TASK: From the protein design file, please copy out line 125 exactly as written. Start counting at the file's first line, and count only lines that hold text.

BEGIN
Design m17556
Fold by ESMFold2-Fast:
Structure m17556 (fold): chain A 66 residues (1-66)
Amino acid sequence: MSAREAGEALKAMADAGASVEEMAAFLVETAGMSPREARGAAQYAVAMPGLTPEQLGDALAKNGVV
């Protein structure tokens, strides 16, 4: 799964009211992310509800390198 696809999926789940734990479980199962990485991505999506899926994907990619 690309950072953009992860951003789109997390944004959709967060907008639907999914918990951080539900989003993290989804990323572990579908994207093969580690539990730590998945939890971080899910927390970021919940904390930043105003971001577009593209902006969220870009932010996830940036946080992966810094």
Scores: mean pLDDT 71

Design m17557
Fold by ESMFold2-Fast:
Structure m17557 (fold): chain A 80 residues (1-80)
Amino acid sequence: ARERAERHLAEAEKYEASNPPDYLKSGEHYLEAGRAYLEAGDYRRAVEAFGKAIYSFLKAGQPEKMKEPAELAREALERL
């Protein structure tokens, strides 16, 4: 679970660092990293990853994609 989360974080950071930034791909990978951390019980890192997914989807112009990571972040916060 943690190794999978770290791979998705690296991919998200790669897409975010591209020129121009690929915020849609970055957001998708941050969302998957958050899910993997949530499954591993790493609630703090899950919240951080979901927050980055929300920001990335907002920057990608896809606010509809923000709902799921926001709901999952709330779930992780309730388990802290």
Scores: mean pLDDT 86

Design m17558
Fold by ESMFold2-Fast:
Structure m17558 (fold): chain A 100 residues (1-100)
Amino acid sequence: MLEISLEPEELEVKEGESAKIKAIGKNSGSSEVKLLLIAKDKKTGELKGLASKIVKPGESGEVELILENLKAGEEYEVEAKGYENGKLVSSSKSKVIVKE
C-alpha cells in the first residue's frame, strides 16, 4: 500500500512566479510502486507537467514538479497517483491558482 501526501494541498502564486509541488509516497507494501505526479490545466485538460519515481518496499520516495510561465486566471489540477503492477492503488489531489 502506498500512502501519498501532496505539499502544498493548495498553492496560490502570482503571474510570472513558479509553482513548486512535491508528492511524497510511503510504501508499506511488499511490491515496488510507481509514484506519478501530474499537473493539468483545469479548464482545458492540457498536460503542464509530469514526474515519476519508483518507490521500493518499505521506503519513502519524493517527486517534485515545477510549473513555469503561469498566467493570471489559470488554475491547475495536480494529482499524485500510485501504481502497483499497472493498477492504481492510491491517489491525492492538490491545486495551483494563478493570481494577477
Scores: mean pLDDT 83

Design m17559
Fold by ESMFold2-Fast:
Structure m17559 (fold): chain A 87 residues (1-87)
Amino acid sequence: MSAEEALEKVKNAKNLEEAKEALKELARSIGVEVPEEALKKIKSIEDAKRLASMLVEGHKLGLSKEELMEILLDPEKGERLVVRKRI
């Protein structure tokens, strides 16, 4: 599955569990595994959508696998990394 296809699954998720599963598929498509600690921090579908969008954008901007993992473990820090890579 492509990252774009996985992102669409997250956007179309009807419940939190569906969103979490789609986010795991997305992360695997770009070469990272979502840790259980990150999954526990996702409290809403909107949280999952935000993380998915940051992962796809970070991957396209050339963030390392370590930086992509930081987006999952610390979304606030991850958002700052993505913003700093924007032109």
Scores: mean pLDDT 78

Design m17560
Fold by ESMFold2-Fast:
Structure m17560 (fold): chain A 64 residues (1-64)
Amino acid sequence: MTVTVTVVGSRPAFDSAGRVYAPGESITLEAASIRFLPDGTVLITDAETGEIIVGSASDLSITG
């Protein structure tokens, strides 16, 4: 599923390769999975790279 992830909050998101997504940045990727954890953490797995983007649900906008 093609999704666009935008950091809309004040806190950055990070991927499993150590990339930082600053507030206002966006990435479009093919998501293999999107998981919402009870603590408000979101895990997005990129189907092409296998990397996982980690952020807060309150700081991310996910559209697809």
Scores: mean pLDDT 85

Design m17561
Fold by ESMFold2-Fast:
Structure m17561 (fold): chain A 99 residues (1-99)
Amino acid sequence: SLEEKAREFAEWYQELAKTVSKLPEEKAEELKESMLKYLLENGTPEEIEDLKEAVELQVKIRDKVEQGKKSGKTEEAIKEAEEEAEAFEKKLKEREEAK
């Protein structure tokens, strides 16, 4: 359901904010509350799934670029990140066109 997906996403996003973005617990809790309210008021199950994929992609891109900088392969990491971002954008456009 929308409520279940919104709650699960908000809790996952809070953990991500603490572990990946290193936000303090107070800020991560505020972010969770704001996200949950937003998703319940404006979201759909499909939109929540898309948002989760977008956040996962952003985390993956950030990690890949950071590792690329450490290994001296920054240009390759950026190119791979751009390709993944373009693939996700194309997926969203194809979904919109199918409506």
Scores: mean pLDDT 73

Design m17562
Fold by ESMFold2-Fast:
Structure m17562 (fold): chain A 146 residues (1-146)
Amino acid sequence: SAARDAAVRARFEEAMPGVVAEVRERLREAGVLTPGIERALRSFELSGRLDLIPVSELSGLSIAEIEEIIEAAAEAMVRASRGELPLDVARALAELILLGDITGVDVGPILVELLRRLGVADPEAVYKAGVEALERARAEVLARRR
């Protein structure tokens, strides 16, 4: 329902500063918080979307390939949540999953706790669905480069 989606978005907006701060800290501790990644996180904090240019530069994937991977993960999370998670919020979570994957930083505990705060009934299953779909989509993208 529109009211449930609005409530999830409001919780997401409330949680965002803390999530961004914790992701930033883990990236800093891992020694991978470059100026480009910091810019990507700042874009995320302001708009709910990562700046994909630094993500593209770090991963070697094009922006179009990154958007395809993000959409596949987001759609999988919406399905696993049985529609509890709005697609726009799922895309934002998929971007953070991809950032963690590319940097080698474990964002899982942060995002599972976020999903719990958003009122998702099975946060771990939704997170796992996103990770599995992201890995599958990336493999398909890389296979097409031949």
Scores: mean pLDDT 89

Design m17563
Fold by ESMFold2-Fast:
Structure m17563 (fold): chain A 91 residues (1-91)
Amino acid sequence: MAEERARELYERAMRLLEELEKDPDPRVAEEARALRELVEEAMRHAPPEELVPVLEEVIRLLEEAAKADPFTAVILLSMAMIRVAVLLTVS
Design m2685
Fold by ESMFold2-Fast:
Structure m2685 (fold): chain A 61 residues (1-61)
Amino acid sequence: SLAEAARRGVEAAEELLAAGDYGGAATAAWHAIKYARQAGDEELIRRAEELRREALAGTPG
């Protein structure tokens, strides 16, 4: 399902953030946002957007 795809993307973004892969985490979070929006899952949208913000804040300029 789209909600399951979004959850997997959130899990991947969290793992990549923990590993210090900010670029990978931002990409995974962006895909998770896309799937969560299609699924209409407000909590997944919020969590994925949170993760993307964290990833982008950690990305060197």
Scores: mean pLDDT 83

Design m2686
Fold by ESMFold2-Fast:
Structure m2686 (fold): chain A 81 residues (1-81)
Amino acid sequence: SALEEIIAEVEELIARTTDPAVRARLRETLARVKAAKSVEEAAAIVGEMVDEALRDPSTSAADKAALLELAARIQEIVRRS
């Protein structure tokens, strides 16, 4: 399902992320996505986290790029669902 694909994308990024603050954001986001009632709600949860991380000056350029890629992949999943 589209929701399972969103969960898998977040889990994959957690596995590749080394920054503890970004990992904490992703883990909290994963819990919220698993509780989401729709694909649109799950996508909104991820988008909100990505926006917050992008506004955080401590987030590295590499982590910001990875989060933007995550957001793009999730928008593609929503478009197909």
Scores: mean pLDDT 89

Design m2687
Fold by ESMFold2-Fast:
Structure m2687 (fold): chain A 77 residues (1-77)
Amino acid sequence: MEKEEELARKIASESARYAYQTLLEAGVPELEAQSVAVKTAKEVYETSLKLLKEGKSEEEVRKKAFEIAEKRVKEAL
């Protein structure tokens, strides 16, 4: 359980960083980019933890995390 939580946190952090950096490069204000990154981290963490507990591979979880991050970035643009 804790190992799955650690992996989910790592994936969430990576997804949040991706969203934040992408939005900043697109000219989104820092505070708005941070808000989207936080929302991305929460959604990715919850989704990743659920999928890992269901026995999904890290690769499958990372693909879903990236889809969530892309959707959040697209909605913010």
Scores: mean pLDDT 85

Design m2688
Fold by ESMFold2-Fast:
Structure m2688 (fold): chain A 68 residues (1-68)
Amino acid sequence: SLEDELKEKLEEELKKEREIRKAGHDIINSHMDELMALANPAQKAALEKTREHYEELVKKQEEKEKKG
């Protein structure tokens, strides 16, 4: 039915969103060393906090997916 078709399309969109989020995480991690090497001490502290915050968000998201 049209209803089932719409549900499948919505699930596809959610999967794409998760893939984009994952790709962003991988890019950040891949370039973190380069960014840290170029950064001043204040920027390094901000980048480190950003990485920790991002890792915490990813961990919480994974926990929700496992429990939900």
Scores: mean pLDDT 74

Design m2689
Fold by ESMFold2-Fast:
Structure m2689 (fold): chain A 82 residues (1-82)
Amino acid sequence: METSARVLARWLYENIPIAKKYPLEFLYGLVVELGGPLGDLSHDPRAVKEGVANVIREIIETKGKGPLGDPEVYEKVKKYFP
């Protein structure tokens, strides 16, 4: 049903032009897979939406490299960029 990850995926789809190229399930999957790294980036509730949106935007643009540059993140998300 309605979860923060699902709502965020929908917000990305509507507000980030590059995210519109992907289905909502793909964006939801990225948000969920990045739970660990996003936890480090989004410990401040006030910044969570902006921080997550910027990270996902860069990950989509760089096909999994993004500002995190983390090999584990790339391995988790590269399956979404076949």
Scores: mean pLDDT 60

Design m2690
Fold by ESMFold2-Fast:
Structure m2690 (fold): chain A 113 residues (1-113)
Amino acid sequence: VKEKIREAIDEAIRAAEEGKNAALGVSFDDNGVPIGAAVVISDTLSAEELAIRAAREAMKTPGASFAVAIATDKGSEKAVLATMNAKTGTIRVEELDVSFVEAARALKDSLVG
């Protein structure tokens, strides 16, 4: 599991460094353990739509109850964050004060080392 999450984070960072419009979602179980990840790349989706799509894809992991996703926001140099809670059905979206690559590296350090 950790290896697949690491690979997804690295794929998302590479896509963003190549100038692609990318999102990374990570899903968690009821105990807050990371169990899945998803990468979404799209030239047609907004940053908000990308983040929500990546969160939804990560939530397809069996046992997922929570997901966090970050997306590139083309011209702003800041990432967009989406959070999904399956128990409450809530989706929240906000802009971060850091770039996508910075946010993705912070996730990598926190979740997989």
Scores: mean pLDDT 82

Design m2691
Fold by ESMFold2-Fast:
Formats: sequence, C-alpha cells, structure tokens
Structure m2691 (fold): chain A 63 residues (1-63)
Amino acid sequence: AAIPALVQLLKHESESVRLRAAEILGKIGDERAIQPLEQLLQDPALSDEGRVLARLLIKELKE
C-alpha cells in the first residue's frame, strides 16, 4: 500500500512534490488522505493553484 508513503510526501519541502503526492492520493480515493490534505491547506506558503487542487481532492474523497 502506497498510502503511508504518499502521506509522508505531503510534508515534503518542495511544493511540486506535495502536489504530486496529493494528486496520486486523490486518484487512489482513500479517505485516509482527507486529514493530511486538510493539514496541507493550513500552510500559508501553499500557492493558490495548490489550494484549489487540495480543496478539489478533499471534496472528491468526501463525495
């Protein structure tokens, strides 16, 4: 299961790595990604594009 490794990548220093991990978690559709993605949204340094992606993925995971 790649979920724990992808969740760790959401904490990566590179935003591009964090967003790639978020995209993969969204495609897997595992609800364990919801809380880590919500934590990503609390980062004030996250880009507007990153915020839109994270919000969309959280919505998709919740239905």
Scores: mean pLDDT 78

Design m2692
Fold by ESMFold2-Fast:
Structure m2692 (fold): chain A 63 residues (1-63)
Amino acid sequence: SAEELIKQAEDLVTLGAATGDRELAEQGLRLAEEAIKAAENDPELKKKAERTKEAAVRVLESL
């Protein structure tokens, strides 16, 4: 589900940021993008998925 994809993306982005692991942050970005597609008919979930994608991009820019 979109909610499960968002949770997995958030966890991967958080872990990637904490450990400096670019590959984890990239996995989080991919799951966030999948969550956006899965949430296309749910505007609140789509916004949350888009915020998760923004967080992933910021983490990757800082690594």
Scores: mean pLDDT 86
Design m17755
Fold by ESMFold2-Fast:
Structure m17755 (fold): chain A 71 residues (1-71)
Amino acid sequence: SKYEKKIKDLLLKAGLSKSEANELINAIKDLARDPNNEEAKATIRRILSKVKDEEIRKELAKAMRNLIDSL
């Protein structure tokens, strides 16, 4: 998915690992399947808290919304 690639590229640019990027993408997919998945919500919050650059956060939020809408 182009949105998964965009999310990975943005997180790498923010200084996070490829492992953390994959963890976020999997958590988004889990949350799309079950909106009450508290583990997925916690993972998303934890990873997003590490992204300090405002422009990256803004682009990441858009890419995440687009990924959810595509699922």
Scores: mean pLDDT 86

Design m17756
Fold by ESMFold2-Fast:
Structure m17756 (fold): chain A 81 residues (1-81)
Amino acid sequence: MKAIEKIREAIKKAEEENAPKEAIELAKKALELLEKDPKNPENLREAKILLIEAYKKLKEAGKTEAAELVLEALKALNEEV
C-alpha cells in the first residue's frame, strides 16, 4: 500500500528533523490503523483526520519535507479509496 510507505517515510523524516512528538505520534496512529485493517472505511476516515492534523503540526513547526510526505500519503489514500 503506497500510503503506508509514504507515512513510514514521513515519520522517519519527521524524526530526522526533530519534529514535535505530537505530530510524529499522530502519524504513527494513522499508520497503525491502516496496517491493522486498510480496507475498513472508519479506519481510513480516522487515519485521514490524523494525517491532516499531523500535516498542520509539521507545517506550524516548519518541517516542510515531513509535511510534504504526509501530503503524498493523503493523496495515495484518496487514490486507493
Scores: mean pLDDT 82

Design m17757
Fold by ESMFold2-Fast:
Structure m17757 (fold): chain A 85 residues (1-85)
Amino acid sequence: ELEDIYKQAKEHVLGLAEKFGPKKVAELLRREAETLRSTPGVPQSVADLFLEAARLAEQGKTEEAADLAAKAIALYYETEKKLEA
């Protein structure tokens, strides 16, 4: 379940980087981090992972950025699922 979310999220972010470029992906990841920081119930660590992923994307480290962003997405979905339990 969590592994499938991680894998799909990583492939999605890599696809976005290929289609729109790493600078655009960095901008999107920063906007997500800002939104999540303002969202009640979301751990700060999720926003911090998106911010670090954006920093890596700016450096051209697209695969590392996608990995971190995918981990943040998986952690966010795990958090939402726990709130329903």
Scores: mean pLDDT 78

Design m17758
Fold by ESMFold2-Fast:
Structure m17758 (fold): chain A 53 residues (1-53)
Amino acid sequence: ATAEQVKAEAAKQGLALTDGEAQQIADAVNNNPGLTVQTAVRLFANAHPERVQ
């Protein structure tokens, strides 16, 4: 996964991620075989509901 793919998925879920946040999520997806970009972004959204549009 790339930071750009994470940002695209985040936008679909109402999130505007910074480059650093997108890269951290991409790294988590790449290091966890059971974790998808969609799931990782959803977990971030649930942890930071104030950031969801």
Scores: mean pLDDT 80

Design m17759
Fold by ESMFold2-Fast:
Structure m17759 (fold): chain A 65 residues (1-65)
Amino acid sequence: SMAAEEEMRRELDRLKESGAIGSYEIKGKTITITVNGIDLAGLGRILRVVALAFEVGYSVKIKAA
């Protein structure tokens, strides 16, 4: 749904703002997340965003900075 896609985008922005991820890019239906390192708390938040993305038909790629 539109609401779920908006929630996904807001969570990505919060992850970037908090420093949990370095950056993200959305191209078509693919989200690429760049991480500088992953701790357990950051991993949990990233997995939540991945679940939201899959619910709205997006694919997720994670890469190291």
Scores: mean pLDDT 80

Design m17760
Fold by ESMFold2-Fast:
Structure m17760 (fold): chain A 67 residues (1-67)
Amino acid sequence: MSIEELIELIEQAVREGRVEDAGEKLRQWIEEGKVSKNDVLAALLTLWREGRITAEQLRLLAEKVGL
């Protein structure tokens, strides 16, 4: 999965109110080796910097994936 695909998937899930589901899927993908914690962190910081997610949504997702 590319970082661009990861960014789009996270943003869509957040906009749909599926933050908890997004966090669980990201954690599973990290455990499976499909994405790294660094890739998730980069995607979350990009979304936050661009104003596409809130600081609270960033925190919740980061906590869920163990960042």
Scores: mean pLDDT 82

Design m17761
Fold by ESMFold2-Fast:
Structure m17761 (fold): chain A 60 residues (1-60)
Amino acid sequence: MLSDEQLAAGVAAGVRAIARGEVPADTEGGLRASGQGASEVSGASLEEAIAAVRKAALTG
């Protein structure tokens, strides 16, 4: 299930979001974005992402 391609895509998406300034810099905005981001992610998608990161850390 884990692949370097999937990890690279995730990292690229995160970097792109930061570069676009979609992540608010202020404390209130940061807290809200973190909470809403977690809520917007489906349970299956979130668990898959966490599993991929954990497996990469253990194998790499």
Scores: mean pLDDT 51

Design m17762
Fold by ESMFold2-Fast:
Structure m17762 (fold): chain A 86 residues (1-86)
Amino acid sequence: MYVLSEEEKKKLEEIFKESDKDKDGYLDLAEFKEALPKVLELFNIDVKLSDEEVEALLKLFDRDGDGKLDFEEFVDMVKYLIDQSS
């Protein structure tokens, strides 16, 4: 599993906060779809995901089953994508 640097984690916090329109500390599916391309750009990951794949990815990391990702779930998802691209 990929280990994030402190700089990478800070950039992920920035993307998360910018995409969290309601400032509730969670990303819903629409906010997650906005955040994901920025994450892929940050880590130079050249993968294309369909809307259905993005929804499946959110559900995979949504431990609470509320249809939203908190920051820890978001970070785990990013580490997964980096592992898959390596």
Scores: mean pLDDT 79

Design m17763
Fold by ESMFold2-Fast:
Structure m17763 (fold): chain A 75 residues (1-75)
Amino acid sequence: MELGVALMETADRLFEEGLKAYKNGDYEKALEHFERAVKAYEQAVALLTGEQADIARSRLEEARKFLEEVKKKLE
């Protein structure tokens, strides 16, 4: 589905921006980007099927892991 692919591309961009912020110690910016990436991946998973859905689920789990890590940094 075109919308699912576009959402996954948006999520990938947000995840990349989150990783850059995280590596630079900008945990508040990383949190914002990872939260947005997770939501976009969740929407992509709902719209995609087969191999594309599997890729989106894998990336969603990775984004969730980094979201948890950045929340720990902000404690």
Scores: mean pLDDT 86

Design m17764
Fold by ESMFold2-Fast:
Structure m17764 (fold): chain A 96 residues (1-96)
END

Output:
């Protein structure tokens, strides 16, 4: 749904703002997340965003900075 896609985008922005991820890019239906390192708390938040993305038909790629 539109609401779920908006929630996904807001969570990505919060992850970037908090420093949990370095950056993200959305191209078509693919989200690429760049991480500088992953701790357990950051991993949990990233997995939540991945679940939201899959619910709205997006694919997720994670890469190291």